This is, of course, a rodent who is never in much of a hurry. The gait is typically a walk or amble with a relatively wide straddle. The feet have a unique pad and long nails which result in rather distinctive textured surface tracks. Also look for signs of feeding behavior and scat.
A hapless fellow near Mt. St. Helens.
The front foot has four toes with long nails. The interdigital pad has a unique textured surface that often shows up in tracks left in mud or dust.
The hind foot has five toes in a 1-3-1 pattern (though you have to look close here to see the fifth toe next to the pad). The hind foot also has the textured pad and long nails.
James Halfpenny found these tracks on the mud flats at Beaver Lake in Yellowstone National Park. The porcupine walked across the flats in several places, probably moving between feeding grounds in the conifers around the lake.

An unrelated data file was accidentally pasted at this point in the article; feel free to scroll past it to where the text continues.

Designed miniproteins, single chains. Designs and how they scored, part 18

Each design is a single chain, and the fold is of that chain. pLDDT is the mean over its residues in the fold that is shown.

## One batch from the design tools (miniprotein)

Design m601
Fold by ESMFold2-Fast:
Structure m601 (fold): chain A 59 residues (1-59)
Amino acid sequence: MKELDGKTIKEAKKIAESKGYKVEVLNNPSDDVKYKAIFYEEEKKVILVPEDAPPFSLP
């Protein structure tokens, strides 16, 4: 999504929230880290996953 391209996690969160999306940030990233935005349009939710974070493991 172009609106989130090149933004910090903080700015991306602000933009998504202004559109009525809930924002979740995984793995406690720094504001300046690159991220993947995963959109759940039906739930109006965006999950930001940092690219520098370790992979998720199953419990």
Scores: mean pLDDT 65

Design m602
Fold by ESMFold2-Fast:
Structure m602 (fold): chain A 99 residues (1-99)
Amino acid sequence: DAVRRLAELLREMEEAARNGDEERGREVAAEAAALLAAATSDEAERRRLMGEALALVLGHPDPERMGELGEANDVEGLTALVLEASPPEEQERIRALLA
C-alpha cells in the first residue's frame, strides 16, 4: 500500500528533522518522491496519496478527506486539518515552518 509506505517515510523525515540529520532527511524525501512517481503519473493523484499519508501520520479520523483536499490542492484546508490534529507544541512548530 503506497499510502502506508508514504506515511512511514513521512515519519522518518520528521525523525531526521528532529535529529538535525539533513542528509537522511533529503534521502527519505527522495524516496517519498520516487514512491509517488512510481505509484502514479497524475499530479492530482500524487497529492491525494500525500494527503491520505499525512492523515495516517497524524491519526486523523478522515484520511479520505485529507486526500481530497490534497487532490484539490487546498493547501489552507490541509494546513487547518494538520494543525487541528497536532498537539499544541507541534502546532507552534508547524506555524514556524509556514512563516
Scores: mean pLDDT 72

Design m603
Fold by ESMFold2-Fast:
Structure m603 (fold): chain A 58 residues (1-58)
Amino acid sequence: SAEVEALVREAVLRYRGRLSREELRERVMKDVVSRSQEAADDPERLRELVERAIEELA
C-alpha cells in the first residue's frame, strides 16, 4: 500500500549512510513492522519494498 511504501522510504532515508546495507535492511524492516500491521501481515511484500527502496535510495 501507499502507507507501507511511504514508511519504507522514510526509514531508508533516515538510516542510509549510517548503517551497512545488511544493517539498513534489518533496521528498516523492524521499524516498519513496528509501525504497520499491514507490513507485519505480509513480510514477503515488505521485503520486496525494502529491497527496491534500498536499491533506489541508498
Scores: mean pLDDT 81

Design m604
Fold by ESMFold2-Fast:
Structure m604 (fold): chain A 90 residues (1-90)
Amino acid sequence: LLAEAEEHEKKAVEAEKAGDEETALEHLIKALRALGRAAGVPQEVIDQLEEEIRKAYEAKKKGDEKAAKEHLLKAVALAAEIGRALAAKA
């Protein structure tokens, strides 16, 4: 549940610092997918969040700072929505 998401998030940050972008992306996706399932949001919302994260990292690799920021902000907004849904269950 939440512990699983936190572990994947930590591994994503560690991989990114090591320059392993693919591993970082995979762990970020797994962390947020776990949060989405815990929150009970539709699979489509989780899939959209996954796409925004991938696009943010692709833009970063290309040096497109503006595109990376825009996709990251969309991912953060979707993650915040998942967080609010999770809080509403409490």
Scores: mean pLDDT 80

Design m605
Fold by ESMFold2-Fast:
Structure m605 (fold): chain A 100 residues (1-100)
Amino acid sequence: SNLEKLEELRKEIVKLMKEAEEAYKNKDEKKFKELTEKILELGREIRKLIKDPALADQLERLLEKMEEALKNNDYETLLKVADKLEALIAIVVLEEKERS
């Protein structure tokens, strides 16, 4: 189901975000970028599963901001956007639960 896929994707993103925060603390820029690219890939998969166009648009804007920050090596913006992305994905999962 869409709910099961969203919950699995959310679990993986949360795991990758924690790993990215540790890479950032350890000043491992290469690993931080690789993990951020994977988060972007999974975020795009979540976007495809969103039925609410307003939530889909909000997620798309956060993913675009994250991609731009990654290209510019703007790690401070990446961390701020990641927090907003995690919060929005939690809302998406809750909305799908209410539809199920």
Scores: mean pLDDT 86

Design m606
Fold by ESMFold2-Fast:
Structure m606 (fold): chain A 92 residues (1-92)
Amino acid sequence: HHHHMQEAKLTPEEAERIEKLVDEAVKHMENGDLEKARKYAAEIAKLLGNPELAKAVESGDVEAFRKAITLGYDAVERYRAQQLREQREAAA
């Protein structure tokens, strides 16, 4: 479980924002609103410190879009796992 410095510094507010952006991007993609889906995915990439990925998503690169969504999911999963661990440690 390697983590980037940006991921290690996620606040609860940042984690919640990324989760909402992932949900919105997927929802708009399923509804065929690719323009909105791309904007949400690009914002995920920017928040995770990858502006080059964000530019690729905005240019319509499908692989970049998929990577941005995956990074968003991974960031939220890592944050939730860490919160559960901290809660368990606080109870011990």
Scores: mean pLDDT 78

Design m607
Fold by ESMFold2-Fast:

A porcupine family walked along a dusty dirt road in the Toppenish Wildlife refuge in eastern Washington as they traveled between stands of willow along the creek. Note the textured pad, the faint imprint of two claws (upper left), and the brush of the tail (lower left).
Here is a typical alternating walk (moving right to left in the photo). Parallel to this trail was an identical one with tracks half the size of this adult and a much shorter stride.
This appeared to be a side lope, a slow gallop with the body turned slightly to the direction of travel. All four feet show (LH LF RH RF) in a diagonal as it ran right to left. The end of the prior group shows in the lower right of photo, illustrating the overall stride.
In old snow, the walk can look like this.
To the consternation of foresters, porcupine mainly feed on tree bark, especially conifers. Both saplings and older trees are eaten. The damage can be at ground level or high up in a young tree, usually in patches surrounding the branch that it stood on. Look for nipped branches and bark chips littering the ground.
Woody scat, bark chips, and twigs are often left around the feeding area.
This collection of scat in a burned out stump suggested that this may have been a temporary den, a refuge from the winter weather.
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